5. Karaoke Night

Standing around in a meeting room doing a presentation about yourself in front of your colleagues is a terrible way to do an ice breaking session or team building activity. But if you take the principle and add a party atmosphere, you have a team building experience that millennials will love and may reveal more about their personalities than you might think.

6. Egg Drop

Build teams by having your teams build. The challenge: the egg will drop from a height of one meter. When it does, will your team’s safety net be good enough to save it?

This is a classic team building exercise, but it’s a classic because it works. It encourages teamwork, creativity and strong voices, all things that millennials champion in the workplace.

7. Scavenger Hunts

Want to spark a little friendly competition in the office? Plan a scavenger hunt for your team to kill a slow afternoon. Divide your millennials into teams, and have them work together to solve riddles and clues. This active game will get people away from their desks and help millennials develop the communication skills needed to effectively work together as a team.


Millennials are very health conscious and actively seek out food and experiences that are good for themselves and good for nature. Be a company that cares about its employees’ bodies and minds by encouraging wellbeing initiatives that promote positive lifestyles.

8. Contemplation Spaces

In a busy and diverse world, it’s good to have a space where we can take a few moments to reflect, look Inside and breathe. Help employees reach their inner selves by creating a dedicated contemplation space. A space where no technology, be it a smartphone or a laptop exist. This will help your teams see the minor dramas for what they are and adjust their view of the big picture.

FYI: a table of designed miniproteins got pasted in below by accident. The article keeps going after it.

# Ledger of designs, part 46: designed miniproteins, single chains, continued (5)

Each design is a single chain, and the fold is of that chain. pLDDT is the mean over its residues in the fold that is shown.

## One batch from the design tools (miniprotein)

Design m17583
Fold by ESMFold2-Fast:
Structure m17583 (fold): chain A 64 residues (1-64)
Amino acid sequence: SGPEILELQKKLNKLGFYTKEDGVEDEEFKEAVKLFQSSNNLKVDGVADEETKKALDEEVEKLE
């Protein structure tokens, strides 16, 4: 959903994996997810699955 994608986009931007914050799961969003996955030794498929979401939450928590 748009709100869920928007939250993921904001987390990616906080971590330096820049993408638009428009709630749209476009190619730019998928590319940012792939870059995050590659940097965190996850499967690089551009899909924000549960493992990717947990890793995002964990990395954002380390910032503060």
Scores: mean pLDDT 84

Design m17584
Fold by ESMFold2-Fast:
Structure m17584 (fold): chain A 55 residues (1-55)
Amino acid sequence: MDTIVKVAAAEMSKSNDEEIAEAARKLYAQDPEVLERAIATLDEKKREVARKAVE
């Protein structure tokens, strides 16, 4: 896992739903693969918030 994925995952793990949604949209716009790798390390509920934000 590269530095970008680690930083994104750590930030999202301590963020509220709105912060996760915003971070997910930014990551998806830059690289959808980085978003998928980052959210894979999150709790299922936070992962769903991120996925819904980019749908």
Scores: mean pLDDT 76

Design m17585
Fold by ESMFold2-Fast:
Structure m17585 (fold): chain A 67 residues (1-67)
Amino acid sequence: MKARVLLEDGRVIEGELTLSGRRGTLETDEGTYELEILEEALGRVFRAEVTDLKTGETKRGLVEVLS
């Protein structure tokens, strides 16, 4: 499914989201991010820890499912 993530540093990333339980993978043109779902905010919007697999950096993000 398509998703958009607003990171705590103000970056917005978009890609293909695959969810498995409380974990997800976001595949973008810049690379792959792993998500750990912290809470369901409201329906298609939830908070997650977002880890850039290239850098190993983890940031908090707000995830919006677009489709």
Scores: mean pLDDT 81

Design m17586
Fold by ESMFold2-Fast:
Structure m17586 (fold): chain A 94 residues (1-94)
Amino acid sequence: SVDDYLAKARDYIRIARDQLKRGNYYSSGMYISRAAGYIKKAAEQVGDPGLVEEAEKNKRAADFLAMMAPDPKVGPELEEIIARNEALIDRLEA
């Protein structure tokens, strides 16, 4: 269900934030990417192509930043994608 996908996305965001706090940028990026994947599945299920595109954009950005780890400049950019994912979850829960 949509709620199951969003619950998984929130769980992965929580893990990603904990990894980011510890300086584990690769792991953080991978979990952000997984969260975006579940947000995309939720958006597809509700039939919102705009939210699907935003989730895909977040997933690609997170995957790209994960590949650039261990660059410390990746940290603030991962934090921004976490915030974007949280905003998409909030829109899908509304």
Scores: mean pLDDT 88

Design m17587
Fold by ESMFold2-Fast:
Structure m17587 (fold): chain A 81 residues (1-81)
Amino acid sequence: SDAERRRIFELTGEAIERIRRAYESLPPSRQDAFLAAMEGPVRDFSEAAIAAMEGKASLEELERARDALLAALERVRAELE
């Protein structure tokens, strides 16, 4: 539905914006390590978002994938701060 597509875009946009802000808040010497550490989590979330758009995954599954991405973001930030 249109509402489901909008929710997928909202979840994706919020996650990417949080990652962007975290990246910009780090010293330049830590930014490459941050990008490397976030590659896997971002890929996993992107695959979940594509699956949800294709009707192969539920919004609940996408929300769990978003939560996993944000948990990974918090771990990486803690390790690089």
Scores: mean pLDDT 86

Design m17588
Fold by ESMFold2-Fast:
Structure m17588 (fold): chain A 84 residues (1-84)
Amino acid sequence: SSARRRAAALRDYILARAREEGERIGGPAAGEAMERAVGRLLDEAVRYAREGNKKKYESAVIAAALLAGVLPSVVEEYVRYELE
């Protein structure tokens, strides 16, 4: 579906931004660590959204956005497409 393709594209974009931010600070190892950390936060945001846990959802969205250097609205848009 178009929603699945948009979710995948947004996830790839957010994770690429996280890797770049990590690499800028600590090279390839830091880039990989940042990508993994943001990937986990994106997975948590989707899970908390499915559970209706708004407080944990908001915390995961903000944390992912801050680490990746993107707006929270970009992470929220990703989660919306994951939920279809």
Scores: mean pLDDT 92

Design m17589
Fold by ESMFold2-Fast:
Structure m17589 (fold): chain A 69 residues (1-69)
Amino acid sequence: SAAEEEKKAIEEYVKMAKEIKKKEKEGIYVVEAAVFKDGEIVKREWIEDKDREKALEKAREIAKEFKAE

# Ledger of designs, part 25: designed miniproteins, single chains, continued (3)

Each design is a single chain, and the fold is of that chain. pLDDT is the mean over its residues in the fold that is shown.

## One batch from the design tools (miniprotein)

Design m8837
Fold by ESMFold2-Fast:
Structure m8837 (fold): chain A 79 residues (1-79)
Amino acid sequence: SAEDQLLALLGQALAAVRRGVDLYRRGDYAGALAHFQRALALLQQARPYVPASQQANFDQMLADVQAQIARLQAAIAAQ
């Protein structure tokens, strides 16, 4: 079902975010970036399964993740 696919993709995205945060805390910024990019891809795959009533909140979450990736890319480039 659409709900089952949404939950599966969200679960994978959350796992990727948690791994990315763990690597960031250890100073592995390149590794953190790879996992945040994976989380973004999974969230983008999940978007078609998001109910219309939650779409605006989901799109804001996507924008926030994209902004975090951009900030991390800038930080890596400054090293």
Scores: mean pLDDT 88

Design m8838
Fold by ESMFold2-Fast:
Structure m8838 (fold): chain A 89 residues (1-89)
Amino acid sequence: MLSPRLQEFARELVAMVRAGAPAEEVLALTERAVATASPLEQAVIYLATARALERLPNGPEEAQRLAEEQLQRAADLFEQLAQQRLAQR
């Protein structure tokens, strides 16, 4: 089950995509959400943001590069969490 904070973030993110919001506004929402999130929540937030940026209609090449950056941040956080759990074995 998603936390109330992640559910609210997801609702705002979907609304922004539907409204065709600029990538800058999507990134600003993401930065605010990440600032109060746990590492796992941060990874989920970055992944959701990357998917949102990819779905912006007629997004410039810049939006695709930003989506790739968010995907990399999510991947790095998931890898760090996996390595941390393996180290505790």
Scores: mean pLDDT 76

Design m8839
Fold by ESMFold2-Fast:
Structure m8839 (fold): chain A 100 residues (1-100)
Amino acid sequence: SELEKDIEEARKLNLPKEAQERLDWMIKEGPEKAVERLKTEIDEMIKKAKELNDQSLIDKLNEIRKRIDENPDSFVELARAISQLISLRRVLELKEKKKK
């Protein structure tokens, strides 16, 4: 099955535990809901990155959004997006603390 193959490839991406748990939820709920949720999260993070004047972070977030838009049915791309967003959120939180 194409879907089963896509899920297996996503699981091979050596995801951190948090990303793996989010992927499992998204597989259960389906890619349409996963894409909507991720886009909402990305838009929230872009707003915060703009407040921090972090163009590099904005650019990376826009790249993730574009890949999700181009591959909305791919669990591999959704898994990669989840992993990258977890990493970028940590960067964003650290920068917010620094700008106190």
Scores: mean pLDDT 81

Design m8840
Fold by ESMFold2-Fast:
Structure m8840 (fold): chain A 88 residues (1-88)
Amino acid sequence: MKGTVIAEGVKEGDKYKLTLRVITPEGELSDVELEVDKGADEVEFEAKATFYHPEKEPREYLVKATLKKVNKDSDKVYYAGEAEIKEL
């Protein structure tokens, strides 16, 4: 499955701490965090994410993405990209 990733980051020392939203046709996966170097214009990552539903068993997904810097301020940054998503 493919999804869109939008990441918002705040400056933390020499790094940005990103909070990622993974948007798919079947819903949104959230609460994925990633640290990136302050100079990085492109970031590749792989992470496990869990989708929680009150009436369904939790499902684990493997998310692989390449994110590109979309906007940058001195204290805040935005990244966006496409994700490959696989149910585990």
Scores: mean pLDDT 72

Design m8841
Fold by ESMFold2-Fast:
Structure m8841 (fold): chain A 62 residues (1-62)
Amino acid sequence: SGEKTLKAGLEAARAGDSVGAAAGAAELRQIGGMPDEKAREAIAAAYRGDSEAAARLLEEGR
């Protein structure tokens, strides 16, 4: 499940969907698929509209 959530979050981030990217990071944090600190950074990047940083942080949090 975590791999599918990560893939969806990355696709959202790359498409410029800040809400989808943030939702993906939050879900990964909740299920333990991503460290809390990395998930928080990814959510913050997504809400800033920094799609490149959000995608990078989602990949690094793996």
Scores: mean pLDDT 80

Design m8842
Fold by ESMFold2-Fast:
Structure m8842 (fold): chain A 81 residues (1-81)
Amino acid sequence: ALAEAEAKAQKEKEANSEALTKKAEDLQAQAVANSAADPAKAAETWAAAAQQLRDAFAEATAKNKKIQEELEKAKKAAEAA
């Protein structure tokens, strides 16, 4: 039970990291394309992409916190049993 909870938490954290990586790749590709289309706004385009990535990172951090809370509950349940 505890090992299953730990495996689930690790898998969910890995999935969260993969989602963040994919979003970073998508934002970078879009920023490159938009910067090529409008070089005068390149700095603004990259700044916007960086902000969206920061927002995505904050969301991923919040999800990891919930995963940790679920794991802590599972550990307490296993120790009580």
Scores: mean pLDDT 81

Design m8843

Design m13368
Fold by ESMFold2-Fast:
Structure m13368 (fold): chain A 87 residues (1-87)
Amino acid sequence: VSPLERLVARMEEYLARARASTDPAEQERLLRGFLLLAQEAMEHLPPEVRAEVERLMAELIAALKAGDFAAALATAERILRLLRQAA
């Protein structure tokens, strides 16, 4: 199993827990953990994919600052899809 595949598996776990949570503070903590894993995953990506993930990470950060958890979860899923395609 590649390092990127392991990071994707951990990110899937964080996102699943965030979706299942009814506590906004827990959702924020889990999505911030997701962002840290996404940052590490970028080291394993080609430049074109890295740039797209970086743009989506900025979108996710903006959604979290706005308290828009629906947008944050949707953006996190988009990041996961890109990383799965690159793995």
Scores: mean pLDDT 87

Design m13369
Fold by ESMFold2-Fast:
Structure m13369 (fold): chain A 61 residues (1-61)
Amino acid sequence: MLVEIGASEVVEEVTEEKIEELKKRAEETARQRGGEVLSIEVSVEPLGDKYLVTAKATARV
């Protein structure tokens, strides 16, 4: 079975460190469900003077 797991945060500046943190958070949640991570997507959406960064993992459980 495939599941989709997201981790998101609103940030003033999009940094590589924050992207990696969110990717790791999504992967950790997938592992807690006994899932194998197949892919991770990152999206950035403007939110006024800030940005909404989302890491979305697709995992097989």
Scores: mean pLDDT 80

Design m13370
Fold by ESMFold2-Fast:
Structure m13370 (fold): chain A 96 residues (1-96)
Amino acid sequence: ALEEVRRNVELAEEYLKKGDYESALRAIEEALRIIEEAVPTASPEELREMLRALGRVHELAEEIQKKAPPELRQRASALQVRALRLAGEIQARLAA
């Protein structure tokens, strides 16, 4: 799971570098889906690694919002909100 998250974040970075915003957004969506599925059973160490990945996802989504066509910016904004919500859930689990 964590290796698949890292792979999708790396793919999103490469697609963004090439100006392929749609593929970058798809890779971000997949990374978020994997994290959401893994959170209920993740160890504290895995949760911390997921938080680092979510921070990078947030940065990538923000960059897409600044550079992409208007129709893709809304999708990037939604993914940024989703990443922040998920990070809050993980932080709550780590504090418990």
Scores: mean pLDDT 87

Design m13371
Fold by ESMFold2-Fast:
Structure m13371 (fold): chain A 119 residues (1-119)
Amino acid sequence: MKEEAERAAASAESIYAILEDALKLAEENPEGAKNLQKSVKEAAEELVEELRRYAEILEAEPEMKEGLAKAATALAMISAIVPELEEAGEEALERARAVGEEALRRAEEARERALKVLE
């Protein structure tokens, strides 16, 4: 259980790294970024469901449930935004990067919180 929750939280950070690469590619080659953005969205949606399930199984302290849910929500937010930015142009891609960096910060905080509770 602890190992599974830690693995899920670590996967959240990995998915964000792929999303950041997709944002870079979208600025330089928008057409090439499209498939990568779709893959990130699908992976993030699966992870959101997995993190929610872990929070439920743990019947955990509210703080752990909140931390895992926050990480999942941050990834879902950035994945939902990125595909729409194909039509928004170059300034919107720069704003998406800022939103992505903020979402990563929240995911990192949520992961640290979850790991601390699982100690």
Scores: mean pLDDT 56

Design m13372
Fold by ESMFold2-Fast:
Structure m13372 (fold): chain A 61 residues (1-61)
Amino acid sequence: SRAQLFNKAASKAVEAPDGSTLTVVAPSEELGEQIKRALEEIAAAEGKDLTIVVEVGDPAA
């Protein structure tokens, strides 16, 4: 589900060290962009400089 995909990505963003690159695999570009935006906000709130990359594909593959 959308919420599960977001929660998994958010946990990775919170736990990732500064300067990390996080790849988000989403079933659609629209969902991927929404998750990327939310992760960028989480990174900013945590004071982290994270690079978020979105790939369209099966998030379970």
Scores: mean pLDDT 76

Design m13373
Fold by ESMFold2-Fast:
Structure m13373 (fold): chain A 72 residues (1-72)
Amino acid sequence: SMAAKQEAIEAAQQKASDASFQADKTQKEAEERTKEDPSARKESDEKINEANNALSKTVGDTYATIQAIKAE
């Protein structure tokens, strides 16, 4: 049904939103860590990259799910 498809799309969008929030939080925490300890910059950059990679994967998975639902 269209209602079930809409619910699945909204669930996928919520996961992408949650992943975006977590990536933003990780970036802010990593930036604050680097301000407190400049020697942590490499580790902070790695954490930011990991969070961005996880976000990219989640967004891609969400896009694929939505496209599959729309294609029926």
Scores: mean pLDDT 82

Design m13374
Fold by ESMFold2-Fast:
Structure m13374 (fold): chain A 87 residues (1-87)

9. Meditation Mondays

If you want to make contemplation a group activity, organize meditation sessions at work. Help shed those Monday blues and set your teams up for a positive working week by helping them center themselves in a state of togetherness.

10. Health & Fitness Challenges

Millennials are a competitive bunch, so physical team building exercises are a great way to encourage fitness and help bring them together. Whether it’s a planking tower challenge, races around the office building, or a last-person-standing sit up competition, a physical activity will appeal to the employees that never skip leg day.

Pushing the Boundaries

Millennials are pushing the boundaries of what’s appropriate in the workplace. They’re challenging established norms, such as paternity leave, dress codes and corporate wellness programs. They respect the importance of work-life balance, understanding that happy, healthy employees will produce the best results and increase retention rates. They value onboarding and development, because they see in themselves the same desire for personal growth within business.

Ultimately, millennials aren’t concerned with how they will fit into a company. They want to know where the business will fit in their personal narrative. Millennials are focused on creating the life they want and ensuring their career doesn’t encroach on that goal. Businesses need to adapt to this changing labor landscape if they want to retain and attract tomorrow’s top talent.

Gary Webb heads up PR, marketing and communications for FMP Global, and ensures that all communications help to drive understanding of the solutions available from our experienced payroll team.